The Black Dahlia Murder have been doing their thing since 2001. I’ve always liked their music but have somehow managed to miss them live, which is my doing not theirs because they’ve played in the UK umpteen times including UK TechFest a couple of years when I managed to miss them by a day. This is their ninth album – much to look forward to here.

The beginning is a classic one – ominous build-up followed by a furious assault of melody filled technical death thrash. The opener “Verminous” announces the band’s presence. Darkness is in the guitar work. The juggernaut rolls on into “Godlessly”. The whole thing smacks of wild fury, but the thing with The Black Dahlia Murder is the quality of the to-ing and fro-ing and the song structures, as they rise and fall. These songs are clinically solid without ever being formulaic – they flow too much for that – and I have to say for me have an element of Swedish melo death and a touch of Children of Bodom about them. Deathly vocals work in well with the intricate and absorbing patterns. It’s as tight as you might expect. It’s got energy and it’s heavy. I read that it’s “emotional”. I don’t know about that but there’s plenty of spirit, personality and balls. There’s a short section in “Child of Night’ which takes us into epic spheres. I think this would happen more often but it’s all so tightly controlled and keeping hold of the complex song structures is what counts. Each song is big. And when they do a solo, as they do on “Sunless Empire”, it falls out of the song and isn’t some exercise in vanity. ‘How Very Dead” could have indulged into pomposity but instead goes into loud and proud threatening death metal complete with the deft musicianship that oozes from this band. “The Wereworm’s Feast” takes us on another multi-layered thrill-seeking journey. It’s dark and venomous but it lifts the spirits and as with many of these songs, it’s catchy in the heaviest way. The tempo is ramped up. Adrenaline flows. Necks will be stiff. There will be wonderment at the quality of the musicianship. To be honest, I just wanted to listen to “The Wereworm’s Feast” over and over, but instead there’s a sinister little interlude with a Mediterranean guitar. I guess the idea was to calm us before the storm. And the storm came in the form of the darkest clouds. The Black Dahlia Murder play this album out with a moody piece. It’s still heavy of course, and an atmosphere lingers in the air, as the band prefer to play it out this way than leaving us breathless, as they have done for most of this fine death n roll album.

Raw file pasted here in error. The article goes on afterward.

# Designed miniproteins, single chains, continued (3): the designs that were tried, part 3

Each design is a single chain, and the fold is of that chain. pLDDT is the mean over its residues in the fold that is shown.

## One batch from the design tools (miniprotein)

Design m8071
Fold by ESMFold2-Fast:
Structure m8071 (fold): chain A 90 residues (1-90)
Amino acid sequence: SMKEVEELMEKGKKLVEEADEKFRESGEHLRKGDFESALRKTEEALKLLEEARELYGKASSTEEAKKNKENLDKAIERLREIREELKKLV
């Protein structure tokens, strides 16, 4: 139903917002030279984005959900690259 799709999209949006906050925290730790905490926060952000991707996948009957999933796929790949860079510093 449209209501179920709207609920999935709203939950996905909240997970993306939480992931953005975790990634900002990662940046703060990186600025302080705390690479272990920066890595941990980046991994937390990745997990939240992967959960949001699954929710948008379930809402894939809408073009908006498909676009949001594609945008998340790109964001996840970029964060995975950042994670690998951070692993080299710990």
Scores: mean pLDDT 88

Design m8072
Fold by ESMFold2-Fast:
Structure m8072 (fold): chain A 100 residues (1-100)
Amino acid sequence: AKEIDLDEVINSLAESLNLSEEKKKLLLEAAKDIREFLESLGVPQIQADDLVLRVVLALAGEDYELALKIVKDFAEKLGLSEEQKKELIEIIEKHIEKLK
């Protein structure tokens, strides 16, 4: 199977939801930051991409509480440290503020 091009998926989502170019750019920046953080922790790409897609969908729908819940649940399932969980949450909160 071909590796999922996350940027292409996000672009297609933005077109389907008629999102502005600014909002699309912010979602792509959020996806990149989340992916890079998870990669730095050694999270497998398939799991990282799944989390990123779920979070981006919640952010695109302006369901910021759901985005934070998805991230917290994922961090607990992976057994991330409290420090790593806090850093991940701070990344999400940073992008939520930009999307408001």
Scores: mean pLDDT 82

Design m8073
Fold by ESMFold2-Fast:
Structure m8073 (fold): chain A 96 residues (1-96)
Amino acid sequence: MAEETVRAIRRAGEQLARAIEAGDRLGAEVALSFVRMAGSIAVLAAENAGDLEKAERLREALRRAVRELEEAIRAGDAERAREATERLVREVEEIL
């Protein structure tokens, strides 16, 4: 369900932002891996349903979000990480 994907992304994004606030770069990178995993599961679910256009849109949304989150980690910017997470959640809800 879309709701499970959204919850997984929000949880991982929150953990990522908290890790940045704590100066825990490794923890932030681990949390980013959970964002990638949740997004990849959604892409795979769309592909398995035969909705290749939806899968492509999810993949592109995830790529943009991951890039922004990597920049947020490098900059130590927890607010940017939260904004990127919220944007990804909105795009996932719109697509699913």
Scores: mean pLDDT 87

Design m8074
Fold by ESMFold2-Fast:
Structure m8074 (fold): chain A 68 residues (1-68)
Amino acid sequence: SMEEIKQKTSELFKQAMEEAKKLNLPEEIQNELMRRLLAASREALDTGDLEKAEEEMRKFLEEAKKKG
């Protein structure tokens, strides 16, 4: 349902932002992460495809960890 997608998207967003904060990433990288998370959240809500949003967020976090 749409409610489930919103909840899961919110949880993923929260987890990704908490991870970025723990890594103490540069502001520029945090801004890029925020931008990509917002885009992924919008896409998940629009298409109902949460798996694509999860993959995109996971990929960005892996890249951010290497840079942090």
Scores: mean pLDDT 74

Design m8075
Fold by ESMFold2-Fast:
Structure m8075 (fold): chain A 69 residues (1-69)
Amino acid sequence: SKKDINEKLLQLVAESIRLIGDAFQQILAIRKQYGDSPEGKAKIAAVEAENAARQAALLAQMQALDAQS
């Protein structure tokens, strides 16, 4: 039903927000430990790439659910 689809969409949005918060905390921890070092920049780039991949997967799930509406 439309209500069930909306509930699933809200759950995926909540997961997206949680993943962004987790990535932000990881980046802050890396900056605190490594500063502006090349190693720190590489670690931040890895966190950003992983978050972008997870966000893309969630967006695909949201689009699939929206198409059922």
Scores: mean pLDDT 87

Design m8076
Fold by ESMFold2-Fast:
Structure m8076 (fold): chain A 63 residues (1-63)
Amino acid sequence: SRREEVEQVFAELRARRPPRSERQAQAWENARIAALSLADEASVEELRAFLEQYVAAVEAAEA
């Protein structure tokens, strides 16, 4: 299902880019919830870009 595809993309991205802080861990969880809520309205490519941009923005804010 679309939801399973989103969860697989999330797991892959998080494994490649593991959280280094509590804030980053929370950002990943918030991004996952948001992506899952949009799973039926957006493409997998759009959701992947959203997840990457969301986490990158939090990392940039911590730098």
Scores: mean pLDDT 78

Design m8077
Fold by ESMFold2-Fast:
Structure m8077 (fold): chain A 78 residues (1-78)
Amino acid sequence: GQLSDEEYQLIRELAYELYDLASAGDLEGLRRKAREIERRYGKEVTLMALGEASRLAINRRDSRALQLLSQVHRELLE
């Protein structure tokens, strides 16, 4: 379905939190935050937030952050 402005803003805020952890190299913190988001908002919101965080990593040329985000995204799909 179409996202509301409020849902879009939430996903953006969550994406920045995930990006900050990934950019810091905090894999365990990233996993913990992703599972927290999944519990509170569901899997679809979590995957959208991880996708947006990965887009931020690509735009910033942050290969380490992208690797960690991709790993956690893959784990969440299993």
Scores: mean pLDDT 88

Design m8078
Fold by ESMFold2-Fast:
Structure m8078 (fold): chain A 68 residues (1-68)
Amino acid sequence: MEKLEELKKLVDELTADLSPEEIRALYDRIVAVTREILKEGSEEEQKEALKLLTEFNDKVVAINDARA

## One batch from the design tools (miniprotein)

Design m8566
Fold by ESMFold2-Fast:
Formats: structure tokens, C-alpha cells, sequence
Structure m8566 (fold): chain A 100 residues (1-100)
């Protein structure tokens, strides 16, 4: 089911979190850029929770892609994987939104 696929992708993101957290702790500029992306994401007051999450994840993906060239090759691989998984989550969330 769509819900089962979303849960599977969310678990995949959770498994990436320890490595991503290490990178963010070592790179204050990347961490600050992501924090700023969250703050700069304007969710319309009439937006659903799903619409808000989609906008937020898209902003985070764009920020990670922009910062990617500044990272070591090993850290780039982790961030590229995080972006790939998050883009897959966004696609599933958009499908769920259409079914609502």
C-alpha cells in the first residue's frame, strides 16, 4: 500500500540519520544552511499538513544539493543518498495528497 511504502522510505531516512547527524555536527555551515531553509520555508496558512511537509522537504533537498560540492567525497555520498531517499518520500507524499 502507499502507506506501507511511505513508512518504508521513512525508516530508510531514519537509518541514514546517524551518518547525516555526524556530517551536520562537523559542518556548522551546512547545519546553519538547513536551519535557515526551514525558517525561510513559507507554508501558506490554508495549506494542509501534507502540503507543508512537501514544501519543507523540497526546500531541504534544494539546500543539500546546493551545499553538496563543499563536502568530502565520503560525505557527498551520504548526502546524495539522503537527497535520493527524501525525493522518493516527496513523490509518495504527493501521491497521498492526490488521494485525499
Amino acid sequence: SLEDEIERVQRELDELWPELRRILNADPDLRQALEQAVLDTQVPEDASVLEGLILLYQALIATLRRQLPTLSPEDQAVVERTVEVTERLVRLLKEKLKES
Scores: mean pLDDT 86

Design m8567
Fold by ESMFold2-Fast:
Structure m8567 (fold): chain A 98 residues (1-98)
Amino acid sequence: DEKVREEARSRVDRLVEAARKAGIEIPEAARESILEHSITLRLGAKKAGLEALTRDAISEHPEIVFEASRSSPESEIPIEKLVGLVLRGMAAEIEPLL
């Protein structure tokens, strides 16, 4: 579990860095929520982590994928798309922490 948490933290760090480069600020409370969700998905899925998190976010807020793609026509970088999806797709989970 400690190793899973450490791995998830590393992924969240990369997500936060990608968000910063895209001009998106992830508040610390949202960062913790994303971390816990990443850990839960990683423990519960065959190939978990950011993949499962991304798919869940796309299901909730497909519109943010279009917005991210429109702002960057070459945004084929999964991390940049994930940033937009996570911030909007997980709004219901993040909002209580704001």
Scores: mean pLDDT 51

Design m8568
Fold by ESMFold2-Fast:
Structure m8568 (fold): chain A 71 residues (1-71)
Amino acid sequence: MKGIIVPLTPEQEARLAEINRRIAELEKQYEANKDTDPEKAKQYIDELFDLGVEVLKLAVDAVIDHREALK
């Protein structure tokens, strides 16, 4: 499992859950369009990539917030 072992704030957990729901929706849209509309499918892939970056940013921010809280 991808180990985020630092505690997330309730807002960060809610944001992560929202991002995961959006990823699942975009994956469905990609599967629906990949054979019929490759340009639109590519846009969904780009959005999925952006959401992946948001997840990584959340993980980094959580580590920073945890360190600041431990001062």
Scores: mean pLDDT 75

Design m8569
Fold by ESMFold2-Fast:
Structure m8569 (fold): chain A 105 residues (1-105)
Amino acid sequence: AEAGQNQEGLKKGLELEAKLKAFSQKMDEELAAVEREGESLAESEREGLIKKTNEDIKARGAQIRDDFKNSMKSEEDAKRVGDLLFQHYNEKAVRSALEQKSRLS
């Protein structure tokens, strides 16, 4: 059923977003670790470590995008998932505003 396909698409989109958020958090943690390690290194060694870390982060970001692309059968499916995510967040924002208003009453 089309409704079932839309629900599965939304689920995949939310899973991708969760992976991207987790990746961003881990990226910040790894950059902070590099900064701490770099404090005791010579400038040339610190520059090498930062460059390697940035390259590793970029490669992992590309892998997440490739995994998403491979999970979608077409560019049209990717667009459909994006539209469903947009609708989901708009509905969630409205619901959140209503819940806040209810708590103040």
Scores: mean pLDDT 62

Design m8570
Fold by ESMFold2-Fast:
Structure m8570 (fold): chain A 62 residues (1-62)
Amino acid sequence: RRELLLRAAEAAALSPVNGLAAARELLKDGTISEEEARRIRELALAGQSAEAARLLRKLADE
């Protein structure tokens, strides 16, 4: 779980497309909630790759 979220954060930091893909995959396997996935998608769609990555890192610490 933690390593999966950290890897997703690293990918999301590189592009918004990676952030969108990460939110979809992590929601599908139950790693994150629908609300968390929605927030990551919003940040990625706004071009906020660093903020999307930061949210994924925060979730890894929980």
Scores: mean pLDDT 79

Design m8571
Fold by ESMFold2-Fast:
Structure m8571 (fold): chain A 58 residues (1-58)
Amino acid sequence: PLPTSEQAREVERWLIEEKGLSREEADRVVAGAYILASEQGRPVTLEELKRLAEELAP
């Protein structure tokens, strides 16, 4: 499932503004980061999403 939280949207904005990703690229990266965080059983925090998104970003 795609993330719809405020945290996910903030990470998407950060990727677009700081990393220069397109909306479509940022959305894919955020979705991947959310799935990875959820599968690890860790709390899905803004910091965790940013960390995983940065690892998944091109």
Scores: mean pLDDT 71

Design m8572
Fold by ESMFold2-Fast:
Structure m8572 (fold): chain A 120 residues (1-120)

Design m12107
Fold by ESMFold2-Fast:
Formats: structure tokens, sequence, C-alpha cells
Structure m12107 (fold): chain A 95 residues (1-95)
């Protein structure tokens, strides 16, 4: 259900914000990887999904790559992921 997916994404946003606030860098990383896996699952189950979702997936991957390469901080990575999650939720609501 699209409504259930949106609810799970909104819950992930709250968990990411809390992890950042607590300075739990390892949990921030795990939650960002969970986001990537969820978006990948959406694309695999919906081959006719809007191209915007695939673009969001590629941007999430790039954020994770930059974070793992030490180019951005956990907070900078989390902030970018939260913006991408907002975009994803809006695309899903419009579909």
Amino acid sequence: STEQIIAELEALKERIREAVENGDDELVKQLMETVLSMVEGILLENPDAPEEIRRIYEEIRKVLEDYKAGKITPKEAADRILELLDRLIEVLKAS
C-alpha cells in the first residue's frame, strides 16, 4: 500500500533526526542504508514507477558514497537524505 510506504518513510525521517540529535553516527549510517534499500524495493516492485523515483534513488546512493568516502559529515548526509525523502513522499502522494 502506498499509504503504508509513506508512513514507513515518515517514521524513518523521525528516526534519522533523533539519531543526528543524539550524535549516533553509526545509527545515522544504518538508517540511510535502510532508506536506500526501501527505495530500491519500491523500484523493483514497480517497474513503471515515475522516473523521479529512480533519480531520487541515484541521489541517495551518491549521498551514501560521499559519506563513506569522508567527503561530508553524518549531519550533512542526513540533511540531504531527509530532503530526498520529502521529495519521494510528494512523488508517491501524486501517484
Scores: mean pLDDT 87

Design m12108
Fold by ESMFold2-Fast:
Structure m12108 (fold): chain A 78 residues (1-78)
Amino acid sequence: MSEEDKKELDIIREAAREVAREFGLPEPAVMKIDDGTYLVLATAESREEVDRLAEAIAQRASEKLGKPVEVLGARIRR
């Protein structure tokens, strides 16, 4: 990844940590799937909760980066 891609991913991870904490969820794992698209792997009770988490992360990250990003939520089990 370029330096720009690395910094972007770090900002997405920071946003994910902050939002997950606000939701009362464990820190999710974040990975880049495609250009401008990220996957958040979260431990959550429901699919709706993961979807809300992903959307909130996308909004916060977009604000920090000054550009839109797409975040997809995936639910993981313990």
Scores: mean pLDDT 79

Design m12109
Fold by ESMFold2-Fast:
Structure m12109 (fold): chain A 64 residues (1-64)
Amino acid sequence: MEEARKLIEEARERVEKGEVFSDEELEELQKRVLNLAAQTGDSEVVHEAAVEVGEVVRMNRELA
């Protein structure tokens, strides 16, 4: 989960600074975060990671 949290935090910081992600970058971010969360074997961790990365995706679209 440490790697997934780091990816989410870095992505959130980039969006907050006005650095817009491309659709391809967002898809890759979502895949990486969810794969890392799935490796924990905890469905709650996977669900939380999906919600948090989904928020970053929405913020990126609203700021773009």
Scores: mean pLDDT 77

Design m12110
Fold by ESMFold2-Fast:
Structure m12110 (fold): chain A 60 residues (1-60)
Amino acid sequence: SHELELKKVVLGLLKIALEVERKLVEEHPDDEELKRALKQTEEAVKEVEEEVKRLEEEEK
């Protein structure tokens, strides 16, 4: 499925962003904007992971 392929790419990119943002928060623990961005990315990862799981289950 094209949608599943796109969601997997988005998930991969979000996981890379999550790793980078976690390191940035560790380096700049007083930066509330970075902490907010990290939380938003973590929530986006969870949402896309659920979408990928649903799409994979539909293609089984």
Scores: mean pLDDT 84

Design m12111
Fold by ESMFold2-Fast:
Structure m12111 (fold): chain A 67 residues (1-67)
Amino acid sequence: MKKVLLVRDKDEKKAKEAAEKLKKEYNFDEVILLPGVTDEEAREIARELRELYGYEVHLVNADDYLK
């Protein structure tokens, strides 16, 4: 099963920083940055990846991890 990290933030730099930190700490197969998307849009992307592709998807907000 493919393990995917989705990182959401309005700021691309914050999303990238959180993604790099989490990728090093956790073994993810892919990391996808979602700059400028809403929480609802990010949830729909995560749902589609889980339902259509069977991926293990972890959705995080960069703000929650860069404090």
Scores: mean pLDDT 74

These are the most solid songs imaginable. It’s very easy to tell from listening to “Verminous” why The Black Dahlia Murder are such a highly rated live band. This is heavy, exciting and highly accomplished.

(8.5/10 Andrew Doherty)